This one I think is available on Amazon in the US, but perhaps not officially out here? Unsure. I had heard about it though and it was part of Waterstone’s BOGO half off deal so I picked it up.
  12. Half of a Yellow Sun by Chimamanda Ngozi Adichie
    They have these wonderful patterned covers for Chimamanda Ngozi Adichie’s books. I had recently bought Americanah in the US so couldn’t justify buying that even though I adore that cover, so went for Half of a Yellow Sun.
  13. The Summer I Turned Pretty series by Jenny Han
    The US covers are so boring. Stock photo teens. UGH. While these UK ones are so cute. I haven’t read this series yet, but I love Jenny Han and decided I needed the set.

Actually amazing I didn’t end up getting more. I had considered buying another suitcase so I could get more, but exhibited some self control. The US of A needs to step up its cover game.  More affordable books would also be nice, but that’s another conversation.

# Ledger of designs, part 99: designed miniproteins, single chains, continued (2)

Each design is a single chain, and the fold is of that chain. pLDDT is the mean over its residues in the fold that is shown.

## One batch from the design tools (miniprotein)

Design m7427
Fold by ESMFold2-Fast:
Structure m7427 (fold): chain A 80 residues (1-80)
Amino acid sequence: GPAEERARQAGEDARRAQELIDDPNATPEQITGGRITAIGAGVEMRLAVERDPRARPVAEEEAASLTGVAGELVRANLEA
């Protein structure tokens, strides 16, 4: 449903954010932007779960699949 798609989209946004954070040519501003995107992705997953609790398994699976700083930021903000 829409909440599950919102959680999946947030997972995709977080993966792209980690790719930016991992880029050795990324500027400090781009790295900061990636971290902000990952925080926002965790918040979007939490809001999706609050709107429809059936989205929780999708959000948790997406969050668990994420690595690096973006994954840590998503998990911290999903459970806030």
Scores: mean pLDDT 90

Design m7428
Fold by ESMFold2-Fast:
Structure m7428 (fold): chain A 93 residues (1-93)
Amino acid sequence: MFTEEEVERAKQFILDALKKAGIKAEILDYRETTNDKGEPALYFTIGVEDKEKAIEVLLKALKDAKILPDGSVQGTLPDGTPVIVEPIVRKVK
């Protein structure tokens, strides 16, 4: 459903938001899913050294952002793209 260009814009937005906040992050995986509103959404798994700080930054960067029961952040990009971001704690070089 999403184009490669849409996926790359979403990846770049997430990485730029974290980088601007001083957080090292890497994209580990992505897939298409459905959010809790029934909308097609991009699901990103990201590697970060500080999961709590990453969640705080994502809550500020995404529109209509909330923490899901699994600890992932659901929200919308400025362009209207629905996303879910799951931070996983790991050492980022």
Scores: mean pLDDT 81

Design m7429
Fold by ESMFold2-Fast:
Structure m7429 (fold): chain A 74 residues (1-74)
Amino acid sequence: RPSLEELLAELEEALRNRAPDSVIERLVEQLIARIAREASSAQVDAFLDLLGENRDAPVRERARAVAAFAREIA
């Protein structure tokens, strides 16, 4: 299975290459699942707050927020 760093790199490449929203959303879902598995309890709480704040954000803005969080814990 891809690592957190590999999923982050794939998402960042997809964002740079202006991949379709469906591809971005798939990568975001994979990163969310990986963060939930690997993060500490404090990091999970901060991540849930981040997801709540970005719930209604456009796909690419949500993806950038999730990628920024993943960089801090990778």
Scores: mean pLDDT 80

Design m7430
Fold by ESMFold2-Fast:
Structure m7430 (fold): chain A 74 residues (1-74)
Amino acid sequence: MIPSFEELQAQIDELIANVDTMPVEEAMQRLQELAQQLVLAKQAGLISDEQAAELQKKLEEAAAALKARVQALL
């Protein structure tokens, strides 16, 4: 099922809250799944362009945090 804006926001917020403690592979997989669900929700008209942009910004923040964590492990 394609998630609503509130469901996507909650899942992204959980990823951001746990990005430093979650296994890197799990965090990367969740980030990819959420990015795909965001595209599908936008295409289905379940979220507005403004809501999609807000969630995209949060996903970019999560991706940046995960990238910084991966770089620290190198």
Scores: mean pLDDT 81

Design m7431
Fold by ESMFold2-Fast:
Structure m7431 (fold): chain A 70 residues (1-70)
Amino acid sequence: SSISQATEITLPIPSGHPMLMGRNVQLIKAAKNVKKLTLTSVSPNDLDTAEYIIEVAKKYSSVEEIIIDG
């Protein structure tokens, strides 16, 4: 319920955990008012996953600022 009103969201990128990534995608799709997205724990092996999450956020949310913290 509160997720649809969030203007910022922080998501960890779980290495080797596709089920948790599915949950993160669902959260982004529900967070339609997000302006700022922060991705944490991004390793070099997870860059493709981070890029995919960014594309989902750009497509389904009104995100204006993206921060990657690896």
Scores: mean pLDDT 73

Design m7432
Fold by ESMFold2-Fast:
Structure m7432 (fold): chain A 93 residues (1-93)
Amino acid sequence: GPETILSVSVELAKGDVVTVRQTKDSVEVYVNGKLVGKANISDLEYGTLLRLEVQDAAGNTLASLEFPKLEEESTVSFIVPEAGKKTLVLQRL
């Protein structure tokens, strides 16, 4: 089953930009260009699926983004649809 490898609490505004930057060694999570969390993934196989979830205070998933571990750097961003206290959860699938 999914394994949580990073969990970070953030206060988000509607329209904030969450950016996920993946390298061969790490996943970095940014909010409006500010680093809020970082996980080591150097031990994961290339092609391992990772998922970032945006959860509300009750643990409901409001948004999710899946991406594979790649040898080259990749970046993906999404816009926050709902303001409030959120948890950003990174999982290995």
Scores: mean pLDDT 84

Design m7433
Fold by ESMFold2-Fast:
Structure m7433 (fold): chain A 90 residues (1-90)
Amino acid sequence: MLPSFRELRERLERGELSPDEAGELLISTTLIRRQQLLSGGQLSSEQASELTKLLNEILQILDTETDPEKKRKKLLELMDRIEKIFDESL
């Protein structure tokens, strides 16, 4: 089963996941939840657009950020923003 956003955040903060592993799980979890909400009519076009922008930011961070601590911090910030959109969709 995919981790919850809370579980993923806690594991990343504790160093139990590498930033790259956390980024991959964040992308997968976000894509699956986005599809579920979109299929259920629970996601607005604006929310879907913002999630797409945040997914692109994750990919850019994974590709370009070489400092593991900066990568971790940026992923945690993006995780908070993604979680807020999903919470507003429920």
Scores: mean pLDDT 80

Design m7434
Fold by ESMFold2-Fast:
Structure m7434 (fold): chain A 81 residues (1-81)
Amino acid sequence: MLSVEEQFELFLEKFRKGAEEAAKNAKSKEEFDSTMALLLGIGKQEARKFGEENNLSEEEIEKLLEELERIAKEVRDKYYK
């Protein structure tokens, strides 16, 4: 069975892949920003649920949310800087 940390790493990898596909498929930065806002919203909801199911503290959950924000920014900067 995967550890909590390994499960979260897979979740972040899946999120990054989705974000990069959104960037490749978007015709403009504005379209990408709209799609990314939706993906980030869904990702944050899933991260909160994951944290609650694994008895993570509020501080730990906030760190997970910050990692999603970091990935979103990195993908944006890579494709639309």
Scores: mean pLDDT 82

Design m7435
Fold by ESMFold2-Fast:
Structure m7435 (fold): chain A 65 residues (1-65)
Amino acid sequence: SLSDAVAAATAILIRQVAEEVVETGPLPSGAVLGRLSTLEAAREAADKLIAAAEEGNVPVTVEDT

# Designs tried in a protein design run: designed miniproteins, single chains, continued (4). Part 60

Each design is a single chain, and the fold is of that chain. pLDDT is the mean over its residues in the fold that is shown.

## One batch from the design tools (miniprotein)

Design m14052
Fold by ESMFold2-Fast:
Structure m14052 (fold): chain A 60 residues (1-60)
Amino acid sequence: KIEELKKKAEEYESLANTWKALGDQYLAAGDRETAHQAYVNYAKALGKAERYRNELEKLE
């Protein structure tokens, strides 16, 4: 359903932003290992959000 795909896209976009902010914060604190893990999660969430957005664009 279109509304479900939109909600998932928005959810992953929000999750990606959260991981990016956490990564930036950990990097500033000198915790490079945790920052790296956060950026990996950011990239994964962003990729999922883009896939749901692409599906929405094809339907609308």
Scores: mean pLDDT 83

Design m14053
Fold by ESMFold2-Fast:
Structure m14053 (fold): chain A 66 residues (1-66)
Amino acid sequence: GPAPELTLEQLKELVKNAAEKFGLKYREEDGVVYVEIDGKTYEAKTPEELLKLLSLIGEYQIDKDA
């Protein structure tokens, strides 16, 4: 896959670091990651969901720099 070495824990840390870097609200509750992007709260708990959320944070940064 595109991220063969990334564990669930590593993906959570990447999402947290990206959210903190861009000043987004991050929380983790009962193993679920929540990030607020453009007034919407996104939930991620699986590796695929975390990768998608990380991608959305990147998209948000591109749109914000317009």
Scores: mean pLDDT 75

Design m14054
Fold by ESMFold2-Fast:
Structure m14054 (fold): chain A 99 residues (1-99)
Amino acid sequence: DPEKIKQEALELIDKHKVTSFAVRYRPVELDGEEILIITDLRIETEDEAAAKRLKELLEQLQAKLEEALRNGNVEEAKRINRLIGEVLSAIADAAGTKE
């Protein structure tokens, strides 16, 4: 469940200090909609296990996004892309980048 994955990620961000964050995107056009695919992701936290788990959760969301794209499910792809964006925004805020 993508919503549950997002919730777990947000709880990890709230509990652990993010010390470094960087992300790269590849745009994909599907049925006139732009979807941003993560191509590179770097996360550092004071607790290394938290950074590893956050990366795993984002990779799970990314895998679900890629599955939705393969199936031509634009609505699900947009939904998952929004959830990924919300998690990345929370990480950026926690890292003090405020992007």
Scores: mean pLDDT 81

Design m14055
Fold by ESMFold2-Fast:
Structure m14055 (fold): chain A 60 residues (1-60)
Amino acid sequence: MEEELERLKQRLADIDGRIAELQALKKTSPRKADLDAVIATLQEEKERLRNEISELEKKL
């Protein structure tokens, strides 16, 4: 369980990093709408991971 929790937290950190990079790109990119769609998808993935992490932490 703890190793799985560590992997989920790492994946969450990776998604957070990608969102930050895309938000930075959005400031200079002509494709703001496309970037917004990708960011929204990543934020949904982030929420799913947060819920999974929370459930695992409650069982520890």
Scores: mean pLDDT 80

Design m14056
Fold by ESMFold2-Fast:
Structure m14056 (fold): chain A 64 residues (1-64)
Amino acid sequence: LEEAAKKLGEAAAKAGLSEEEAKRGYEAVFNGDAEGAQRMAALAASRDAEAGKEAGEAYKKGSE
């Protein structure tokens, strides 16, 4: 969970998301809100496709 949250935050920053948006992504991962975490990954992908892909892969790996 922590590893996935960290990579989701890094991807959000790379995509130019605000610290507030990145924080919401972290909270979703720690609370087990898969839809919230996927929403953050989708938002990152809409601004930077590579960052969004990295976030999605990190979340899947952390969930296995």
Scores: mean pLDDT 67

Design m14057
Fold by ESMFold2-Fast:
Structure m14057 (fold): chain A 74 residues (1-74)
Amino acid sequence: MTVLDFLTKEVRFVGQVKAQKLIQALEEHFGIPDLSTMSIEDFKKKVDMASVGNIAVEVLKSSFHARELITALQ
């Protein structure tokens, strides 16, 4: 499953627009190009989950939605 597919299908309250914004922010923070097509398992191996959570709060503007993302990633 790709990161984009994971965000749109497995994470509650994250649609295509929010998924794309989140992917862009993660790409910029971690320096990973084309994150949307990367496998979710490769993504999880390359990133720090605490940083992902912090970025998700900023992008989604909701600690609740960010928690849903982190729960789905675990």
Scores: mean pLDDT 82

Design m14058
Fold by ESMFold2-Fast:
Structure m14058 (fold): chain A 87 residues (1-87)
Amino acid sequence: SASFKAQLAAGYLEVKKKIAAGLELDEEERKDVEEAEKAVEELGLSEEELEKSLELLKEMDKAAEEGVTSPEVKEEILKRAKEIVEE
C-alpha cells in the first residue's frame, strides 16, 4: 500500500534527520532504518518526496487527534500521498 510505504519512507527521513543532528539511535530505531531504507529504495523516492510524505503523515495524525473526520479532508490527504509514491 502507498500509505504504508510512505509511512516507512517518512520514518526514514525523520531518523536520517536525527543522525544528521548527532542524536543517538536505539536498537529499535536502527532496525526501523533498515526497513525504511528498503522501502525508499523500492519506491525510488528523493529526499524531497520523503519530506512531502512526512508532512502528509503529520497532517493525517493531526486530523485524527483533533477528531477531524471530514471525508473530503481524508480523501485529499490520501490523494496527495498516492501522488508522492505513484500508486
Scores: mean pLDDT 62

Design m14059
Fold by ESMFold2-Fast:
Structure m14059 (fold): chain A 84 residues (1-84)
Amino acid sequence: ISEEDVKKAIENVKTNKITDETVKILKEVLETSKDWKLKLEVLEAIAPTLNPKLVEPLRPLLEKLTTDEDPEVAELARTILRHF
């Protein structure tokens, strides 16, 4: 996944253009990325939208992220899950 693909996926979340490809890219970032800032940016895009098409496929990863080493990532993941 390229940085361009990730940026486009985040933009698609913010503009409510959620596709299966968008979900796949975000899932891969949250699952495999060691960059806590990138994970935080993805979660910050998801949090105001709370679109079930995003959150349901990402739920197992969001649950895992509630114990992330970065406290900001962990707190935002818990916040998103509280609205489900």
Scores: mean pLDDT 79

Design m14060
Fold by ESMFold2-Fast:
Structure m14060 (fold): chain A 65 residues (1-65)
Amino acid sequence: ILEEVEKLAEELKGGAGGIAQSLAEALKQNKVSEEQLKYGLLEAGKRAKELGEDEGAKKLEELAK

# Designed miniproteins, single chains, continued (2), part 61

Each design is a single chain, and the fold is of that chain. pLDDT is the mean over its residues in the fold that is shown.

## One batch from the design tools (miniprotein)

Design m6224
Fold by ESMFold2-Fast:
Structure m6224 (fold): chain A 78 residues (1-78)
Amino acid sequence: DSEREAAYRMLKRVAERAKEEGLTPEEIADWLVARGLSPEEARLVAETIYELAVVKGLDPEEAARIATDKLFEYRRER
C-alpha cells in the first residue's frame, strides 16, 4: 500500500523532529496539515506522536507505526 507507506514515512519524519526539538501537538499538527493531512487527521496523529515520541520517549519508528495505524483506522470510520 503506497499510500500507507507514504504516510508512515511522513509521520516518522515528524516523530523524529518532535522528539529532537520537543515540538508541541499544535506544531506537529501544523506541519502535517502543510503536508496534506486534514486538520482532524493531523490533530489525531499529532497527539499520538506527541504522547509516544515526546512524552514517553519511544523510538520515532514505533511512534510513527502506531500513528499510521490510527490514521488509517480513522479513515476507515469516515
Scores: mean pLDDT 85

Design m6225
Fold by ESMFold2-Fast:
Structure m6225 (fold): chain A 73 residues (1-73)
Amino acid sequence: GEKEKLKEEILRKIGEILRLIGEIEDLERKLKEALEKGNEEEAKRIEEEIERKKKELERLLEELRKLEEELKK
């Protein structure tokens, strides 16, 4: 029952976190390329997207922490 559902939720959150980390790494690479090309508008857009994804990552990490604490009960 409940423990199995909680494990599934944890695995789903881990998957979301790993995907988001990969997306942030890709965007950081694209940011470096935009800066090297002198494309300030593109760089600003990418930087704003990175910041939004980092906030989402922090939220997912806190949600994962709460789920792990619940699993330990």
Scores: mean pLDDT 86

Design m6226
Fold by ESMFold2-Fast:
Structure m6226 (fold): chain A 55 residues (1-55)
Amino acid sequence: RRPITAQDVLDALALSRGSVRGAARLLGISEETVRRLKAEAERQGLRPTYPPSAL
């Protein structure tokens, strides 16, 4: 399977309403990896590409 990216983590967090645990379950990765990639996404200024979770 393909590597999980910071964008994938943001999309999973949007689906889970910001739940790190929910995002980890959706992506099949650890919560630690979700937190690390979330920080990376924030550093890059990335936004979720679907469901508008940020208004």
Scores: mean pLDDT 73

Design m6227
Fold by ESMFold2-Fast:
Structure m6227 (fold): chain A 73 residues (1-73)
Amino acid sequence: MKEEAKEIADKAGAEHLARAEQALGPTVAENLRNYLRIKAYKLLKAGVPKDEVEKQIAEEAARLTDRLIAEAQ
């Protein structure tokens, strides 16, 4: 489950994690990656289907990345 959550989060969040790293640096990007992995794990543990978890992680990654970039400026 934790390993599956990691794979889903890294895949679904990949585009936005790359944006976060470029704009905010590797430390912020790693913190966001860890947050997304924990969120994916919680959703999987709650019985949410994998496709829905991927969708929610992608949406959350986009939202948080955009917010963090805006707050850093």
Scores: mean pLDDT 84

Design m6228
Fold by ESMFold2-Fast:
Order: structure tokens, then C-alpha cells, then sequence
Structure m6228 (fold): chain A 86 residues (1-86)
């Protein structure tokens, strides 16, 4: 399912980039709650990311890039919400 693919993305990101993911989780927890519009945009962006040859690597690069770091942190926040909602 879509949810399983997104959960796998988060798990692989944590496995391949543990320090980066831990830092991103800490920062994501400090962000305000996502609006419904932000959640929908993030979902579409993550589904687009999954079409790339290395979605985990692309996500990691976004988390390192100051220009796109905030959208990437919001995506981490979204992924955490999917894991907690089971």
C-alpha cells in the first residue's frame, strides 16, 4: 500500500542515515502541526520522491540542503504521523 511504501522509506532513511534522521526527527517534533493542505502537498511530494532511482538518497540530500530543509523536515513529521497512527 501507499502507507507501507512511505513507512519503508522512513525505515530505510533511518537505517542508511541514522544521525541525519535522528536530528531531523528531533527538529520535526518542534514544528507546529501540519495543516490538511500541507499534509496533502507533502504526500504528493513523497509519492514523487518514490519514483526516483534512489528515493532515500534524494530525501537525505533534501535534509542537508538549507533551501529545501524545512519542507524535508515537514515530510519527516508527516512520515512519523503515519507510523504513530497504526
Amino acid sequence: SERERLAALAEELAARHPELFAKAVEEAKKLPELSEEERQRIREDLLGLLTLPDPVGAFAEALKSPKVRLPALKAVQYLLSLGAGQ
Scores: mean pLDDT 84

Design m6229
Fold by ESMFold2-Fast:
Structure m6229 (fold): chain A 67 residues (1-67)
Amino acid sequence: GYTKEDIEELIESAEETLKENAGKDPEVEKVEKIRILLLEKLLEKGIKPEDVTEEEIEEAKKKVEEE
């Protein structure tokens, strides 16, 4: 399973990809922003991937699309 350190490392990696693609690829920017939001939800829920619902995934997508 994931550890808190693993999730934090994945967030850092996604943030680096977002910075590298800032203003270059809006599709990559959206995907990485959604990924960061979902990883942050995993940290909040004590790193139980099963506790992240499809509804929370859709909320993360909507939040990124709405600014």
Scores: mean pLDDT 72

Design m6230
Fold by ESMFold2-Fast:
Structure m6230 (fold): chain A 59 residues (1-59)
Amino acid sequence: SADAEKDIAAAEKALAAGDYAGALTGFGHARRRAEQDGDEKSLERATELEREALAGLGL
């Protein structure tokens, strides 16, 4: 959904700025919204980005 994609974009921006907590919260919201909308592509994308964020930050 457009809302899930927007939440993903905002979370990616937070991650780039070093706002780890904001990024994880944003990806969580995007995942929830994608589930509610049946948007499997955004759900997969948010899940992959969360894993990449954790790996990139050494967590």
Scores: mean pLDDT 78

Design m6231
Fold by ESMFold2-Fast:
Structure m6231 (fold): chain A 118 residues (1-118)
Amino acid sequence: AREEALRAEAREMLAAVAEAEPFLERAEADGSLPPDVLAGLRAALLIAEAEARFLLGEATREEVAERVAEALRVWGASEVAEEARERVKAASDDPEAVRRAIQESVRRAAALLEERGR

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Internet Famous

A lot of people seem generally offended that anyone internet famous dare write a book. I, however, am not someone particularly bothered by it or find it some affront to literature. I do get the pushback. The aim for these books isn’t always quality, just money. But hey, the book industry needs to make money and giving Youtube and Vine stars book deals isn’t always a terrible thing. If someone finds enjoyment in the books then so be it. I picked up a few books penned by the internet famous and do not feel like any brain cells were killed in the process.